An accurate value would require breaking the wall up into each different component section. at is requires compressing the insulation. or basement wall . it will settle and leave voids at the top of walls. Typical values are R. headers of various sizes on windows. but still not trivial. fire blocking. and less-than- perfect installation is probably more than norm than a rarity.12=R30.8+(1/16)*.9)*. With loose fill. vents etc. Blown in loose fill is easier. plumbing. Left out of this calculation is the effect of the air layers on the inside and outside of the assembly (for a more detailed explanation see "Air Layers"). the effect isn't terrible: Doubling the framing to 12% results in: (1/34. and because real-world assemblies tend to have more structural material. and R. the R-value increases with increasing density up to a point. with built in assumptions about the conditions the wall experiences. In this case. see R- values for the full discussion) and (2) that the insulation material itself maybe degraded are installed improperly.6 Increasing the framing to 20% results in : (1/34. These are averages. there are top and bottom plates. Note that ceiling/roof values are somewhat lower. While this does reduce the whole wall R-value. Standard framing factors are much higher than the sample wall section shown above--the range from 12% to 20%--that is two to three times more than the sample above. the final R-value depends on the fill being installed to the specified density. and if not installed dense enough.2 Real world issues: There are two complexities here: (1) that conditions the wall is under are different from the assumptions behind this equation (mostly due to the radiant temperature being different than the air temperature. Both can be big factors. while a good ballpark would be to use standard framing factors (which is the percentage of the wall that is solid framing).2=R28.In a actual wall there are significant differences from this simple wall section. but goes down after that. Because they are relatively small compared to super-insulated assemblies. and less-than-perfect installations of insulation. Heat loss thru a slab. It is generally quite difficult to pass that point. more pipes. the air-layer R-value is ignored throughout the sensiblehouse documents.2 for the outside. Batt insulation is notoriously hard to install so it fills the cavity evenly.88+(1/16)*.9)*. electrical outlets. for example there are often double or triple studs in the corners. more wires.7 for the inside layer of a wall.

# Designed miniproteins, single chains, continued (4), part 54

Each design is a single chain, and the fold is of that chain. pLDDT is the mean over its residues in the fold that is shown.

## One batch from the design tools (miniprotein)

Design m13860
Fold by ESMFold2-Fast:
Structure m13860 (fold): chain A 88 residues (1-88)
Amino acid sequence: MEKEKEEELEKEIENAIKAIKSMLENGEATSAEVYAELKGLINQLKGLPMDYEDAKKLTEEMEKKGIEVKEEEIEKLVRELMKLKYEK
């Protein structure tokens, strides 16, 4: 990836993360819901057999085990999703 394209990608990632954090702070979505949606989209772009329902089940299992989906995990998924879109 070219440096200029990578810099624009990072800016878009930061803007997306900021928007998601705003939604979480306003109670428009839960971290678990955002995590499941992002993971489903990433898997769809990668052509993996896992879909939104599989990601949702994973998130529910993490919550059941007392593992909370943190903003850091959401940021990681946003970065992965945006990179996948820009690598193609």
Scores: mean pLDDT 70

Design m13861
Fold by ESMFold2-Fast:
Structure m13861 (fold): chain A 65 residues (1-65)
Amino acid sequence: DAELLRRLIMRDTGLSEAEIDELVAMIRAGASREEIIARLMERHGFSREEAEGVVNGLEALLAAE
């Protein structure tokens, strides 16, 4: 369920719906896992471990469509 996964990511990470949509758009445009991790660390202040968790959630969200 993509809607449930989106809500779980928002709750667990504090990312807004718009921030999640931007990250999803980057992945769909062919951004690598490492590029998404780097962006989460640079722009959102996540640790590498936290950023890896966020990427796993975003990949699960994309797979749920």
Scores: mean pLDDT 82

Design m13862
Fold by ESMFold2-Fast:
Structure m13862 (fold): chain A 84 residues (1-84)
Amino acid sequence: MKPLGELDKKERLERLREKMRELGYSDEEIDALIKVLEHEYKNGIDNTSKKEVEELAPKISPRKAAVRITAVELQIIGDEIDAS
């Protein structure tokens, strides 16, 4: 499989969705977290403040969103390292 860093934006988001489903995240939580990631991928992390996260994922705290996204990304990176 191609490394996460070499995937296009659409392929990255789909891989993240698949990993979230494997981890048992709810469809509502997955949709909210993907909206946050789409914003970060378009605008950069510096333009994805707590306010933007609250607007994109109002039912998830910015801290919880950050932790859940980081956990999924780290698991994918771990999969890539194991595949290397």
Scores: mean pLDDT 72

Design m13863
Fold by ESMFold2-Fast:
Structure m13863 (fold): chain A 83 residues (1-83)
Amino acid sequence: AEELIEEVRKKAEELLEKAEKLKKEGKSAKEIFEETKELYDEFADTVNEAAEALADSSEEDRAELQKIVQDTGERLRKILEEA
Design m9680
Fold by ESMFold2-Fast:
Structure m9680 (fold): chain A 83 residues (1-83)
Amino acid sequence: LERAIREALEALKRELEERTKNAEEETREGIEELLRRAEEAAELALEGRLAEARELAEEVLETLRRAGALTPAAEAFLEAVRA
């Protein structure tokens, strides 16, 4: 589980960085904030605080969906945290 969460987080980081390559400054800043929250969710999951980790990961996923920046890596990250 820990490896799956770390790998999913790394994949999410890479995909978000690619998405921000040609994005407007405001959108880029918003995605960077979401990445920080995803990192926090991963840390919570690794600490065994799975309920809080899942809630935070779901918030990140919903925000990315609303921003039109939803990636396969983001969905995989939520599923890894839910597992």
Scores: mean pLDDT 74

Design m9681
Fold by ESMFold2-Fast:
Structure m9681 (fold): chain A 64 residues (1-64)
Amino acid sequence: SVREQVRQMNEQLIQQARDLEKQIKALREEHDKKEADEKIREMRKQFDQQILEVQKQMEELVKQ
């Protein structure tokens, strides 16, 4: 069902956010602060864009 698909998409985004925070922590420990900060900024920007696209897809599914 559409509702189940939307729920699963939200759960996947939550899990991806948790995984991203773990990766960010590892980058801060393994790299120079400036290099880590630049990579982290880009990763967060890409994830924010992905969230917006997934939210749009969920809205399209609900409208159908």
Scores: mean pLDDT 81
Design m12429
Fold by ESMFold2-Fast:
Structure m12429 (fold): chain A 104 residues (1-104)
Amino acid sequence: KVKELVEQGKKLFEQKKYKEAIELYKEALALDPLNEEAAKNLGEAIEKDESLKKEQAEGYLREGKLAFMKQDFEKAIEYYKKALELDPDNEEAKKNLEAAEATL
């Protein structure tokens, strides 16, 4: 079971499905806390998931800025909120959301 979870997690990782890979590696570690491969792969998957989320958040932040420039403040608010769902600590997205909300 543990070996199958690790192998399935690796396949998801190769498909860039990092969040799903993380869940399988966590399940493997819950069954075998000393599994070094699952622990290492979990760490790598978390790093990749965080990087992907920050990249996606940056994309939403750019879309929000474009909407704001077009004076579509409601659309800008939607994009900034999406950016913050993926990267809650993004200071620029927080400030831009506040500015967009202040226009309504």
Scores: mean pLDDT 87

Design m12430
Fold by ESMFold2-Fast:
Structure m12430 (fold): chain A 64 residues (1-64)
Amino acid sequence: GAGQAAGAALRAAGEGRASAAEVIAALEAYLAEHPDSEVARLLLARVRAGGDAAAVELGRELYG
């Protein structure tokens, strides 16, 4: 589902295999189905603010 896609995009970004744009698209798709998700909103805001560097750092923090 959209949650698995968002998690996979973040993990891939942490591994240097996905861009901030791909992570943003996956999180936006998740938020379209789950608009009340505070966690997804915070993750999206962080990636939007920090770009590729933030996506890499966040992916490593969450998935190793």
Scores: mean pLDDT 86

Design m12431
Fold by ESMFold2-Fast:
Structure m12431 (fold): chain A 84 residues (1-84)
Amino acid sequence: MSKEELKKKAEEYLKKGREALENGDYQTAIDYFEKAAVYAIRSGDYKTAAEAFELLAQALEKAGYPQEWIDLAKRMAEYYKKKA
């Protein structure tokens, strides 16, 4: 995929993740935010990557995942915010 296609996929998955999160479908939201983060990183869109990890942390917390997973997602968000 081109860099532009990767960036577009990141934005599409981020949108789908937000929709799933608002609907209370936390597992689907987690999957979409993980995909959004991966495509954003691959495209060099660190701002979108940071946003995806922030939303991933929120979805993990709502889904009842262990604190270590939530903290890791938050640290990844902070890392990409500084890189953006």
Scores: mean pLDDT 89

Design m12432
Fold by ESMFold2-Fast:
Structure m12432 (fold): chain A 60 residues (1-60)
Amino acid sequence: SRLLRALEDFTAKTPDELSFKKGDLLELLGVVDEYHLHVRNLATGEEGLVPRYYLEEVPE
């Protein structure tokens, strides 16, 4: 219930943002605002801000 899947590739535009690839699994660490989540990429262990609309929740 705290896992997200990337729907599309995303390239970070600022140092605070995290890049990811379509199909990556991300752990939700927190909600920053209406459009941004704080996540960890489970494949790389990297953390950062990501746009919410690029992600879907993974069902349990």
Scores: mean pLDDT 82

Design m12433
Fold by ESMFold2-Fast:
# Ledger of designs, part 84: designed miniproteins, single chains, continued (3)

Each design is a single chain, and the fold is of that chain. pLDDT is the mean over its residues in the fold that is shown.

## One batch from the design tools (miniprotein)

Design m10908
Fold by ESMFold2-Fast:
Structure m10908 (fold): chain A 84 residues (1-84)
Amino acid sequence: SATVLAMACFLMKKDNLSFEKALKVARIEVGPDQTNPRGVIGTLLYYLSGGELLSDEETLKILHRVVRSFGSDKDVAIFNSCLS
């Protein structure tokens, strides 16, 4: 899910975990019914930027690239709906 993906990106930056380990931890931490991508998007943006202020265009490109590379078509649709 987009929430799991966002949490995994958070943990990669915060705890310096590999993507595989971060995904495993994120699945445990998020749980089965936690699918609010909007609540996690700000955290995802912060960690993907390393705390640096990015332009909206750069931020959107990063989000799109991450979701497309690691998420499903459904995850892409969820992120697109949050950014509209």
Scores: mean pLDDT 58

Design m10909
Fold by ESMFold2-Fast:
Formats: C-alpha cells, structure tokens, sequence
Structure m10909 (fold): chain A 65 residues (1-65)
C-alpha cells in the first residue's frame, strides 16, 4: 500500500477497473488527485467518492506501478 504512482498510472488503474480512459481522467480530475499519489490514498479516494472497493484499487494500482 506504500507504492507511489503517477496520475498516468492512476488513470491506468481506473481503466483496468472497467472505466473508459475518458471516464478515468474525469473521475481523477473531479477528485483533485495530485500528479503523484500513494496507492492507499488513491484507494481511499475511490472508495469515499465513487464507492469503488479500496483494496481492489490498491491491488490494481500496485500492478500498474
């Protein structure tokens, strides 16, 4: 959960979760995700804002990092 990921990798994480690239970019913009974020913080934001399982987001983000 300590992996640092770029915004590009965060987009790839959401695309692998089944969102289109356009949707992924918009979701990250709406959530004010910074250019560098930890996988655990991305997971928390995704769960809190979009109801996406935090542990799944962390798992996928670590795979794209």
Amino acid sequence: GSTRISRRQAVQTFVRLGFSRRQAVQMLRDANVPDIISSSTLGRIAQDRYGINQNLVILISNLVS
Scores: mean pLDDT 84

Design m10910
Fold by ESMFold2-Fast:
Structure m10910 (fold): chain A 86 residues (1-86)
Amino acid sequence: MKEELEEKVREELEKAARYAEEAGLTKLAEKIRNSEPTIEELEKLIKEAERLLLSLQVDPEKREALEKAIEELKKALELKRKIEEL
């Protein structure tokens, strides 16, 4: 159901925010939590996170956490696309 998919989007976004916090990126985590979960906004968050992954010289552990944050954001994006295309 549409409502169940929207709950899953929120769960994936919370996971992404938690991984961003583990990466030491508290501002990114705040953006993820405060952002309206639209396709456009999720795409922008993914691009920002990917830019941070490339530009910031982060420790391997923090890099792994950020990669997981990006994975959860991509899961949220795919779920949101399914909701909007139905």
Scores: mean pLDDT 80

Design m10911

. there appears to be no simple way to model heat loss thru the ground. If the soil has significant moisture in it. The farther from the surface the smaller the temperature movement. until you hit a point (about 30') where is no longer changes.Calculating the heat loss thru a slab involves two significant difficulties: soil has a high specific heat. This temperature is approximately the same as the average annual outdoor temperature. and second that the soil temperature changes both with the season and with depth from the surface (see diagram at right). clay. and it summer its warmer. Complications also include solar heat gain (which makes earth warmer than air). In spring the surface warms faster then the deeper ground. The diagrams below illustrate the issue. by showing two possible arrangements of heat distribution in the vicinity of a slab. and many fairly complex models have been proposed and incorporated into energy modeling software. and evaporation (which makes it cooler). the R value will be less--often much less. so heat both moves and is stored as it moves. Further complicating the problem is that soils have different R-value depending on their composition (sand. Modeling slab heat loss Unlike heat loss above ground. so as you go down the ground gets colder then warmer again. In winter the surface is cooler than the deep ground. In fall that process is reversed. rock) and vary from around an R of .5/ft to 10/ft.